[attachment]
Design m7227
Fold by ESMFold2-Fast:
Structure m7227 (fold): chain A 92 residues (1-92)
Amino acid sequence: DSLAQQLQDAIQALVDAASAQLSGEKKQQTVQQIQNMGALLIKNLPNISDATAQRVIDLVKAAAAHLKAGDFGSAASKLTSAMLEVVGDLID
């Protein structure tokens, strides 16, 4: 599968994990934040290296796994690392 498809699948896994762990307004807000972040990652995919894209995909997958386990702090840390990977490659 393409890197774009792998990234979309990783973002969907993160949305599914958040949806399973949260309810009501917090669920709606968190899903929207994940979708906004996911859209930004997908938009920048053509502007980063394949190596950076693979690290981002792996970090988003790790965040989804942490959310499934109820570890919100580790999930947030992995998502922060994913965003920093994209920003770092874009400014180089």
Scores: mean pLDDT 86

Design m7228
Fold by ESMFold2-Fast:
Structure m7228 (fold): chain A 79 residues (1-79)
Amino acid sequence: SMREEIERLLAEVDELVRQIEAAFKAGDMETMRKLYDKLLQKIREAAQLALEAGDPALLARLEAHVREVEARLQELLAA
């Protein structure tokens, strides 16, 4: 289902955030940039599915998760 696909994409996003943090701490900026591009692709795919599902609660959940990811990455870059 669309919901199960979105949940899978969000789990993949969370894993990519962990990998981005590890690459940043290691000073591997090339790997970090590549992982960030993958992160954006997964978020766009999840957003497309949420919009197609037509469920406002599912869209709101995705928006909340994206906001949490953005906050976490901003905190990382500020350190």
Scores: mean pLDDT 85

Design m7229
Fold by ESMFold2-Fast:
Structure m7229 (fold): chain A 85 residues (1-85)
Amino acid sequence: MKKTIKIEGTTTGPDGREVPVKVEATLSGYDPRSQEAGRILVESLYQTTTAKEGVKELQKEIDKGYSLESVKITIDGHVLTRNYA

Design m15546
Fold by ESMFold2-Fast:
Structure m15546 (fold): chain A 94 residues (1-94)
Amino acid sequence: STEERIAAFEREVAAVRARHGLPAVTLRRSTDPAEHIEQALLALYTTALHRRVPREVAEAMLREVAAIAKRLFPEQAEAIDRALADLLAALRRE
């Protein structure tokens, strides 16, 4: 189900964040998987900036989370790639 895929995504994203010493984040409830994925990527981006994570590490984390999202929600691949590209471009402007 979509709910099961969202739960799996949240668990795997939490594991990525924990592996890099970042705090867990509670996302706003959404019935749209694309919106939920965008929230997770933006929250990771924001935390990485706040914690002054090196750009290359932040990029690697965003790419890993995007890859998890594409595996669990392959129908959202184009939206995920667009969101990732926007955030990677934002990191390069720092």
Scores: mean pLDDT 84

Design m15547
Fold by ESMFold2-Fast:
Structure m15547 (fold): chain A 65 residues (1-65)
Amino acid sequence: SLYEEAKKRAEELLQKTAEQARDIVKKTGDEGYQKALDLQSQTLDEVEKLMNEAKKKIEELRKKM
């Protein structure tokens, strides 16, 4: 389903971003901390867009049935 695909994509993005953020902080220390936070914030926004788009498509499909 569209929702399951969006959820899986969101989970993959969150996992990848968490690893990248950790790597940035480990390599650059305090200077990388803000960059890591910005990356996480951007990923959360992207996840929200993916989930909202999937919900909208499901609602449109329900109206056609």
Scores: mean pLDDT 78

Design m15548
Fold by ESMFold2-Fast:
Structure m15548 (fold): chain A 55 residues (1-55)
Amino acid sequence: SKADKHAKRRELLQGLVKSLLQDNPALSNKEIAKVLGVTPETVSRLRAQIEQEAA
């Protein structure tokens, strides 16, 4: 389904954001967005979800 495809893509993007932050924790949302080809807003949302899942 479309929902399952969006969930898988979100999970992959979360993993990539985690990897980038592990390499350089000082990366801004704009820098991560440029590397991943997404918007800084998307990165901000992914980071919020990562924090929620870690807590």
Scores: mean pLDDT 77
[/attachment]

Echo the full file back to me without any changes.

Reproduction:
Design m7227
Fold by ESMFold2-Fast:
Structure m7227 (fold): chain A 92 residues (1-92)
Amino acid sequence: DSLAQQLQDAIQALVDAASAQLSGEKKQQTVQQIQNMGALLIKNLPNISDATAQRVIDLVKAAAAHLKAGDFGSAASKLTSAMLEVVGDLID
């Protein structure tokens, strides 16, 4: 599968994990934040290296796994690392 498809699948896994762990307004807000972040990652995919894209995909997958386990702090840390990977490659 393409890197774009792998990234979309990783973002969907993160949305599914958040949806399973949260309810009501917090669920709606968190899903929207994940979708906004996911859209930004997908938009920048053509502007980063394949190596950076693979690290981002792996970090988003790790965040989804942490959310499934109820570890919100580790999930947030992995998502922060994913965003920093994209920003770092874009400014180089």
Scores: mean pLDDT 86

Design m7228
Fold by ESMFold2-Fast:
Structure m7228 (fold): chain A 79 residues (1-79)
Amino acid sequence: SMREEIERLLAEVDELVRQIEAAFKAGDMETMRKLYDKLLQKIREAAQLALEAGDPALLARLEAHVREVEARLQELLAA
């Protein structure tokens, strides 16, 4: 289902955030940039599915998760 696909994409996003943090701490900026591009692709795919599902609660959940990811990455870059 669309919901199960979105949940899978969000789990993949969370894993990519962990990998981005590890690459940043290691000073591997090339790997970090590549992982960030993958992160954006997964978020766009999840957003497309949420919009197609037509469920406002599912869209709101995705928006909340994206906001949490953005906050976490901003905190990382500020350190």
Scores: mean pLDDT 85

Design m7229
Fold by ESMFold2-Fast:
Structure m7229 (fold): chain A 85 residues (1-85)
Amino acid sequence: MKKTIKIEGTTTGPDGREVPVKVEATLSGYDPRSQEAGRILVESLYQTTTAKEGVKELQKEIDKGYSLESVKITIDGHVLTRNYA

Design m15546
Fold by ESMFold2-Fast:
Structure m15546 (fold): chain A 94 residues (1-94)
Amino acid sequence: STEERIAAFEREVAAVRARHGLPAVTLRRSTDPAEHIEQALLALYTTALHRRVPREVAEAMLREVAAIAKRLFPEQAEAIDRALADLLAALRRE
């Protein structure tokens, strides 16, 4: 189900964040998987900036989370790639 895929995504994203010493984040409830994925990527981006994570590490984390999202929600691949590209471009402007 979509709910099961969202739960799996949240668990795997939490594991990525924990592996890099970042705090867990509670996302706003959404019935749209694309919106939920965008929230997770933006929250990771924001935390990485706040914690002054090196750009290359932040990029690697965003790419890993995007890859998890594409595996669990392959129908959202184009939206995920667009969101990732926007955030990677934002990191390069720092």
Scores: mean pLDDT 84

Design m15547
Fold by ESMFold2-Fast:
Structure m15547 (fold): chain A 65 residues (1-65)
Amino acid sequence: SLYEEAKKRAEELLQKTAEQARDIVKKTGDEGYQKALDLQSQTLDEVEKLMNEAKKKIEELRKKM
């Protein structure tokens, strides 16, 4: 389903971003901390867009049935 695909994509993005953020902080220390936070914030926004788009498509499909 569209929702399951969006959820899986969101989970993959969150996992990848968490690893990248950790790597940035480990390599650059305090200077990388803000960059890591910005990356996480951007990923959360992207996840929200993916989930909202999937919900909208499901609602449109329900109206056609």
Scores: mean pLDDT 78

Design m15548
Fold by ESMFold2-Fast:
Structure m15548 (fold): chain A 55 residues (1-55)
Amino acid sequence: SKADKHAKRRELLQGLVKSLLQDNPALSNKEIAKVLGVTPETVSRLRAQIEQEAA
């Protein structure tokens, strides 16, 4: 389904954001967005979800 495809893509993007932050924790949302080809807003949302899942 479309929902399952969006969930898988979100999970992959979360993993990539985690990897980038592990390499350089000082990366801004704009820098991560440029590397991943997404918007800084998307990165901000992914980071919020990562924090929620870690807590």
Scores: mean pLDDT 77